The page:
re: Cisco Dials Up Videoconferencing I have seen the system live and in person. It reminded me of a cable TV news set. In it's present form, I don't ever see anyone below executive management types having ready access to the system. It will remain far to costly for the common person.
fredfrenzy 12/5/2012 | 3:37:01 AM
re: Cisco Dials Up Videoconferencing Hmmm looks like the cloned Halo, the HP/Dreamworks service....except that HP provides the network as well....

http://www.hp.com/halo/what_is...
Pete Baldwin 12/5/2012 | 3:37:01 AM
re: Cisco Dials Up Videoconferencing Raise your hand if you don't care about videoconferencing or videophones, no matter how good the tech gets.

That's one market barrier that's not going away for a while, I would think. I can see how a few industries might be interested in this, though (design and advertising come to mind).

In the end, maybe TelePresence's biggest contribution could be to get videoconferencing a better reputation as something "normal" ... with the real video boom coming years down the line. By then, some more high-end (and lower price) competitors should spring up.
goniners 12/5/2012 | 3:34:39 AM
re: Cisco Dials Up Videoconferencing Is Teleprensence positioned for videoconferencing
within a company or between companies? I have not
seen any references to interoperability with
Cisco's SBC offerings which presumably would
be required for inter-company videoconferencing.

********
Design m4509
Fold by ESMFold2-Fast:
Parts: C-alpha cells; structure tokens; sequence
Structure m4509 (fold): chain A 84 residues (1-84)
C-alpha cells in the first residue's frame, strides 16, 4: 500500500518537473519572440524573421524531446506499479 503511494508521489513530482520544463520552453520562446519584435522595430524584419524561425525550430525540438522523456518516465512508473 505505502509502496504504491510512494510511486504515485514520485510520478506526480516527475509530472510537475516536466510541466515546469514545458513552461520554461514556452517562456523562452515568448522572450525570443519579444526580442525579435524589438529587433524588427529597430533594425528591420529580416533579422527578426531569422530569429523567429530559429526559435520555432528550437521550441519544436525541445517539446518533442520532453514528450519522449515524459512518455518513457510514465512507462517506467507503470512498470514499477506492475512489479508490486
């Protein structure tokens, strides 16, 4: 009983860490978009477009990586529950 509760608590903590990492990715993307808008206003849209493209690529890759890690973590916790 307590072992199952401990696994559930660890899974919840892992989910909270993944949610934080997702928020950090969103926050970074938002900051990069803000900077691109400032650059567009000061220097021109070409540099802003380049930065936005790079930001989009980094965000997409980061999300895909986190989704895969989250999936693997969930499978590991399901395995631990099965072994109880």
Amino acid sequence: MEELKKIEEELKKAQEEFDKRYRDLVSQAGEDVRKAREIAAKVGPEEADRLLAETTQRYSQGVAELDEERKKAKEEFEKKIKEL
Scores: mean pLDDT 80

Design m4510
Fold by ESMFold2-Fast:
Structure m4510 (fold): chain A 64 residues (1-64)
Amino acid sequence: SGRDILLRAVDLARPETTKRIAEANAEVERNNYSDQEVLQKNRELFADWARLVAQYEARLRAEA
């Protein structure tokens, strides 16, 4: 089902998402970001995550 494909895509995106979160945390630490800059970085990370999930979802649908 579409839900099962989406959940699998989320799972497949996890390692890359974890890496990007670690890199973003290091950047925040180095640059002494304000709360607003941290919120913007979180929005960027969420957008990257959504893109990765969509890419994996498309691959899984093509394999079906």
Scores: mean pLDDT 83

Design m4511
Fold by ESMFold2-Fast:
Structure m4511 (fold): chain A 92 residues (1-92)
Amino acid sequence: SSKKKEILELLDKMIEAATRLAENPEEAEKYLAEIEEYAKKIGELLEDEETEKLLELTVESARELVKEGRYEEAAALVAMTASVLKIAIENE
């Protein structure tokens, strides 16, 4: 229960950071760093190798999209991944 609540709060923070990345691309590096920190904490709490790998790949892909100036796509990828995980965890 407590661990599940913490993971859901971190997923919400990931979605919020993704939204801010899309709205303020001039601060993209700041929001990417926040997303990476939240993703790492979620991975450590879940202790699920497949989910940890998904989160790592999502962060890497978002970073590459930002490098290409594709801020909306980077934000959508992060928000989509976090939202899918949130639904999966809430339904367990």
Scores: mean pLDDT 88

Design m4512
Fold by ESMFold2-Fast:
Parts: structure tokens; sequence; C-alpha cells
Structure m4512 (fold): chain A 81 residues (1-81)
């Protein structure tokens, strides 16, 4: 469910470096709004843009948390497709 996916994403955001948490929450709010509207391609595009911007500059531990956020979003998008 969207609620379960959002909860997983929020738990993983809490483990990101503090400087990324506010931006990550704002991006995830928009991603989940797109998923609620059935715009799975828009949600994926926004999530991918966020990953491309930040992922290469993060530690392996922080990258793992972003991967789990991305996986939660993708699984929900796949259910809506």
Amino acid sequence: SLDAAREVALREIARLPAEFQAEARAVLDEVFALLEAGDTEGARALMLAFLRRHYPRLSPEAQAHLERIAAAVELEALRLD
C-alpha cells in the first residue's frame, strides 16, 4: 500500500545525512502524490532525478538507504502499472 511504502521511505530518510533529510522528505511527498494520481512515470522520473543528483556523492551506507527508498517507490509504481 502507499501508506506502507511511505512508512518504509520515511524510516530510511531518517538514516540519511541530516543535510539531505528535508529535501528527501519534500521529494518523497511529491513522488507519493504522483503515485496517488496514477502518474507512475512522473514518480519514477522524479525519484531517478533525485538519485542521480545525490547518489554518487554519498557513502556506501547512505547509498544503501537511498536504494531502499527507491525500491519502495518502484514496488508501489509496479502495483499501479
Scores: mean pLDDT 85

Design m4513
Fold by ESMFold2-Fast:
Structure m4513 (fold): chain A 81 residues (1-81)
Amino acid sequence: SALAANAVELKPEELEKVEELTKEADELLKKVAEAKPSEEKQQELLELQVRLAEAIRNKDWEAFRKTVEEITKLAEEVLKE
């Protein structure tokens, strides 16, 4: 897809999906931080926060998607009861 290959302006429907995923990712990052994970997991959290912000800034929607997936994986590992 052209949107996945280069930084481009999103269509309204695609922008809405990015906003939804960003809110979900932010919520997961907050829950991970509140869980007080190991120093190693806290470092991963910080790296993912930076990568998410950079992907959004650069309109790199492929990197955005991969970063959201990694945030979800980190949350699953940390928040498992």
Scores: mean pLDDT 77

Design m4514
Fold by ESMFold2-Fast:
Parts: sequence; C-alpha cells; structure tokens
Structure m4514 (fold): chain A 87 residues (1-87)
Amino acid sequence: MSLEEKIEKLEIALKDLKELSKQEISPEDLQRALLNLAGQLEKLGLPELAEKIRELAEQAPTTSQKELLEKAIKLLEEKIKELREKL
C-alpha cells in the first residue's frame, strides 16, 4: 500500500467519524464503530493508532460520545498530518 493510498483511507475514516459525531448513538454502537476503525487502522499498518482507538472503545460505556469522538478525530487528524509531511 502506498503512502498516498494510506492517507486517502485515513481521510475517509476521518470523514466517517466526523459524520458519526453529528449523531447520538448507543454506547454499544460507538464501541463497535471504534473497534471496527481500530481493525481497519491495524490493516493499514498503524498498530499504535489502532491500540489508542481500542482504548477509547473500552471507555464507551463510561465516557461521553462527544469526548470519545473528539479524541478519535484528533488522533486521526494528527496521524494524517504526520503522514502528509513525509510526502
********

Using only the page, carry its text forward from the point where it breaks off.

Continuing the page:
goniners 12/5/2012 | 3:34:39 AM
re: Cisco Dials Up Videoconferencing Is Teleprensence positioned for videoconferencing
within a company or between companies? I have
seen any references to interoperability with
Cisco's SBC offerings which presumably would
be required for inter-company videoconferencing.
Pete Baldwin 12/5/2012 | 3:34:38 AM
re: Cisco Dials Up Videoconferencing It's for either one, but realistically, it's going to be inTRA-company at first. Because you need a Telepresence link on both sides to make this really work.

If you happen to know another company that's installed one, great. You've got an intercompany system. But right now, most customers have to be looking at internal use only, I'd think.

Cisco will eventually have to interoperate with other videoconferencing systems, but they'll want to shop the full-blown Telepresence for a while first.
alchemy 12/5/2012 | 3:34:37 AM
re: Cisco Dials Up Videoconferencing In our new oursourced universe, I see it as a way to turn uninteligable voice conference calls to Bangalore into uninteligable videoconference calls to Bangalore.

At least we'll all be able to watch our soap operas in high def on those conference room plasma screens so it's not a total loss.
Pete Baldwin 12/5/2012 | 3:34:36 AM
re: Cisco Dials Up Videoconferencing ha! Great points.

One application that came to mind when I saw the demo was games. It used to be that you used the company network and servers to play arcade games after hours. Now you'll (with future upgrades to come) use the TelePresence room to hook up with friends across the company and all go on to World of Warcraft in HDTV. You could use one screen for the game and the other 2 to talk with your buddies. Or (eek) play 3 characters at once.

I'm just joking, but I doubt I'm the only one thinking about it.
RFC 2547 12/5/2012 | 3:34:22 AM
re: Cisco Dials Up Videoconferencing Former Cisco user, but something was missing. We
found www.lifesize.com and it made believers out of all of us.